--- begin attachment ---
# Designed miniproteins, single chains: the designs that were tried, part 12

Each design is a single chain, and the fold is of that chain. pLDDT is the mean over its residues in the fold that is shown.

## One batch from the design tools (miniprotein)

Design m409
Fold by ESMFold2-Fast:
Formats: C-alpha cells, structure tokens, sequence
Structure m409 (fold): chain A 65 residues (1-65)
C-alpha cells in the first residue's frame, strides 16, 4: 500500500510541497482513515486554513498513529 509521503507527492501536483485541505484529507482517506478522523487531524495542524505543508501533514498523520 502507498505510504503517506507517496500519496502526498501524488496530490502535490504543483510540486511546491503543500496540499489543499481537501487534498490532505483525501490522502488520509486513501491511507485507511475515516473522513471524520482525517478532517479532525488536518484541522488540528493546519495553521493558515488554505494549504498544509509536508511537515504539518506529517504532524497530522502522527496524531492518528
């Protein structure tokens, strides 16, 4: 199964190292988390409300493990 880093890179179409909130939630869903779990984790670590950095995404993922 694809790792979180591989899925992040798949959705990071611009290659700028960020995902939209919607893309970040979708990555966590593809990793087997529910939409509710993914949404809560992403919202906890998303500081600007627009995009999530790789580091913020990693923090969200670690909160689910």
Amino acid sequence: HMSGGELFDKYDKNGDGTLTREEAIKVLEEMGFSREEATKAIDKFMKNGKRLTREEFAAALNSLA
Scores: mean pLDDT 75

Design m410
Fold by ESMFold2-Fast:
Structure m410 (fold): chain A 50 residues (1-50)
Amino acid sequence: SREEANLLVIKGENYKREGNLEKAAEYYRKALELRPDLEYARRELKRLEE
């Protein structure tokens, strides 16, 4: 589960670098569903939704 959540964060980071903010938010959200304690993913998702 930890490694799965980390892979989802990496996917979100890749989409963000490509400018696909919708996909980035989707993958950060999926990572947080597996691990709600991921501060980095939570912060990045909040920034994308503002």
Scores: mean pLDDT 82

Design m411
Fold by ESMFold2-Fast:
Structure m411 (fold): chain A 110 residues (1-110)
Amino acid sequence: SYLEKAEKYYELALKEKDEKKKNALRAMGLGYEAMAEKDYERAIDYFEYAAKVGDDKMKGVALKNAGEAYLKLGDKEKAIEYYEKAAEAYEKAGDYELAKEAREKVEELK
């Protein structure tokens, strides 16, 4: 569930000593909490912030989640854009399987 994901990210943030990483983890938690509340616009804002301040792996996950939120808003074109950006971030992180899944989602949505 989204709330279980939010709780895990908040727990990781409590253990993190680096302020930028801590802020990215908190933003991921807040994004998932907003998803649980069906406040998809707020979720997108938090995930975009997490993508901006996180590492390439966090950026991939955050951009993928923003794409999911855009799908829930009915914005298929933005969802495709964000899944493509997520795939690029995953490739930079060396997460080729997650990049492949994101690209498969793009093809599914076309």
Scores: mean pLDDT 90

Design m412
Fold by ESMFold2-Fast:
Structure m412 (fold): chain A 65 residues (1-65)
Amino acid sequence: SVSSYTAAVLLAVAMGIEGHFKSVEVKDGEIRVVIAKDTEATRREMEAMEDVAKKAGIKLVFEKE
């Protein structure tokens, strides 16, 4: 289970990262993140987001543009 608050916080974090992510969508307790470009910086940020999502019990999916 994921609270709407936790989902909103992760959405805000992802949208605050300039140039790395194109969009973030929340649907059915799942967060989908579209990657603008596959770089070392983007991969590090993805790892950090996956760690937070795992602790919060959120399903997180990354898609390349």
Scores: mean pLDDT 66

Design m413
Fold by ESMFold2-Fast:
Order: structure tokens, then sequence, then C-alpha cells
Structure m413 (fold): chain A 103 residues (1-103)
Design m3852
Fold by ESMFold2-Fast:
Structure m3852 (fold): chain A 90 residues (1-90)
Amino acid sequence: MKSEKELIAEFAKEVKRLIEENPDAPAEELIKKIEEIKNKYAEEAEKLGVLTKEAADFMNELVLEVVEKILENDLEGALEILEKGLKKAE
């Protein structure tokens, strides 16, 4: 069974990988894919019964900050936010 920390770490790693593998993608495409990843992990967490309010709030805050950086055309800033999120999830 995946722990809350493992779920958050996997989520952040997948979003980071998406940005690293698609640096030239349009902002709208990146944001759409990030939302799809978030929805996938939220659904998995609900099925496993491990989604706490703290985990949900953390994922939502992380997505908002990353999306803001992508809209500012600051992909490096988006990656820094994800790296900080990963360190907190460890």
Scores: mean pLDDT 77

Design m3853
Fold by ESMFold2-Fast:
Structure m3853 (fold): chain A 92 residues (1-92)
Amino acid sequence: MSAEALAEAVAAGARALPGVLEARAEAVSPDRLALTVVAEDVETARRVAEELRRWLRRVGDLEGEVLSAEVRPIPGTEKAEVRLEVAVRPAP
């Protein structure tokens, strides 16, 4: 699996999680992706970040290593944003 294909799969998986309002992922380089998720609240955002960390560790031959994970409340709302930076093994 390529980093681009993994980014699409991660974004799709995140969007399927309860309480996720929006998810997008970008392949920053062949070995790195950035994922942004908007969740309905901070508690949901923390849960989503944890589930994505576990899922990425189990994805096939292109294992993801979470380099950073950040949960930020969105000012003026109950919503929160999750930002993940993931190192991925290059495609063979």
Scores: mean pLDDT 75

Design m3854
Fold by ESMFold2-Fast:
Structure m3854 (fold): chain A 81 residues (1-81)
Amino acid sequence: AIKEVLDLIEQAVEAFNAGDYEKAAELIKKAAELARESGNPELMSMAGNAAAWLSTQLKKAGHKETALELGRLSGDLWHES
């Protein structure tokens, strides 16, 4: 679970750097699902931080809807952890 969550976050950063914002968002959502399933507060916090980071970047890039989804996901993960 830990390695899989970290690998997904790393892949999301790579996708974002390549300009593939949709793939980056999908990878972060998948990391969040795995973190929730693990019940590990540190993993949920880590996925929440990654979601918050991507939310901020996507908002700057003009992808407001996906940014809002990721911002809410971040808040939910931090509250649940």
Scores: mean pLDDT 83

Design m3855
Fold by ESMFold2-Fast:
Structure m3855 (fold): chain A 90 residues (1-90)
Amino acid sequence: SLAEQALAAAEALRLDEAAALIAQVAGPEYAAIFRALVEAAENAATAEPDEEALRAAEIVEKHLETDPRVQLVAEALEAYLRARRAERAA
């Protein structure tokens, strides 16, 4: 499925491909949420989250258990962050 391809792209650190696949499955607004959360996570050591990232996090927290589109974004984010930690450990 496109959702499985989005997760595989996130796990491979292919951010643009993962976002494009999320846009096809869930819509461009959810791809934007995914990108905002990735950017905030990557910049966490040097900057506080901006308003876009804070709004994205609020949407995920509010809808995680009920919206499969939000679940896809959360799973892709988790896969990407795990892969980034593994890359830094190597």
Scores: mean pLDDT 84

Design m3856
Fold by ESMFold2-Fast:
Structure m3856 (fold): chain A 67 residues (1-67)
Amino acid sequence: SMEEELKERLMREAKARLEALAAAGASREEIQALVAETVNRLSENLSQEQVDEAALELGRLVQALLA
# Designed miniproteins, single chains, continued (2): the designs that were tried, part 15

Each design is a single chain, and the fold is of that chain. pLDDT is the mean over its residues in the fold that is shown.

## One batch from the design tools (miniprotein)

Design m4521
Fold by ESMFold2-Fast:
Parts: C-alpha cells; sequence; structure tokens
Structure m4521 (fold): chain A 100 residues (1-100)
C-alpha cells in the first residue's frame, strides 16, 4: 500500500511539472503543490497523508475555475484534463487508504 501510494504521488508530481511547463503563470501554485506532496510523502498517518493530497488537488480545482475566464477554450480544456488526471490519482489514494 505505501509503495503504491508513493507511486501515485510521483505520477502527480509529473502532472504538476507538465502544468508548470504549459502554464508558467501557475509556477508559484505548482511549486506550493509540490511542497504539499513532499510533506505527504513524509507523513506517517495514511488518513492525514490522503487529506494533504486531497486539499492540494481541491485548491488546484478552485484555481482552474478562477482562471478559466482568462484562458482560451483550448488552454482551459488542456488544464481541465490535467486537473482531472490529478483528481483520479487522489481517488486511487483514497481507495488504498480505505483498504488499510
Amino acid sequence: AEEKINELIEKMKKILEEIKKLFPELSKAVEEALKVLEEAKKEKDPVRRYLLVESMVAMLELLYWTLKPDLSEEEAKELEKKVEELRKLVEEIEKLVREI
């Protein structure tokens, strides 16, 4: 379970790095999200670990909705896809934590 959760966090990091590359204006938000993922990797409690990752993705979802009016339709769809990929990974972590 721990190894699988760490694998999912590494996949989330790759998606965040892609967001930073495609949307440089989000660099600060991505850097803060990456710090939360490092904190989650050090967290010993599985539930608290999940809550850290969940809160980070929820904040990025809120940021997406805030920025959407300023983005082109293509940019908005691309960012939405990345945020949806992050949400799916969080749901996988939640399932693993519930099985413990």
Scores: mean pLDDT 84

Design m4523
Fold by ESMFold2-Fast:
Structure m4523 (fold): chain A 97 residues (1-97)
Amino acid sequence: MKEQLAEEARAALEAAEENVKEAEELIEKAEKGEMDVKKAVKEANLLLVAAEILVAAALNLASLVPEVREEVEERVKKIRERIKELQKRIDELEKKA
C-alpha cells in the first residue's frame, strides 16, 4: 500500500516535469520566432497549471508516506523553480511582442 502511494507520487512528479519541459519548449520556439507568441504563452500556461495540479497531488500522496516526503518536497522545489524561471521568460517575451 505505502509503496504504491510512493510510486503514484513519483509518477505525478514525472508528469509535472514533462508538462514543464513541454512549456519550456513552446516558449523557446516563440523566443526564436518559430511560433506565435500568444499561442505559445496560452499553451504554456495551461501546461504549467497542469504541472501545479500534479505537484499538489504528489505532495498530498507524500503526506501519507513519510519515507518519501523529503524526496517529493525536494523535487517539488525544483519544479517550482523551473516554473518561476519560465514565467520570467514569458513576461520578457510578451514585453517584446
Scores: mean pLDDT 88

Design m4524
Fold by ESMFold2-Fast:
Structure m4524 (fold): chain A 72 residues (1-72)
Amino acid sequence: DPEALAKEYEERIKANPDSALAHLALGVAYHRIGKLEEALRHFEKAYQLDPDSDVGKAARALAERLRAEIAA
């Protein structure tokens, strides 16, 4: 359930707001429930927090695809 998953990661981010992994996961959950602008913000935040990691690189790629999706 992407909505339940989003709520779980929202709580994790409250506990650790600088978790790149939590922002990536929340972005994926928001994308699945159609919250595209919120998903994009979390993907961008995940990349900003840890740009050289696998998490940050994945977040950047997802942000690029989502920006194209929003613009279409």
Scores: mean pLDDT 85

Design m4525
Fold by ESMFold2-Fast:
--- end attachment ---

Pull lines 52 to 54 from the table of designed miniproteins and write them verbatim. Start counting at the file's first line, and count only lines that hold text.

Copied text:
Design m3855
Fold by ESMFold2-Fast:
Structure m3855 (fold): chain A 90 residues (1-90)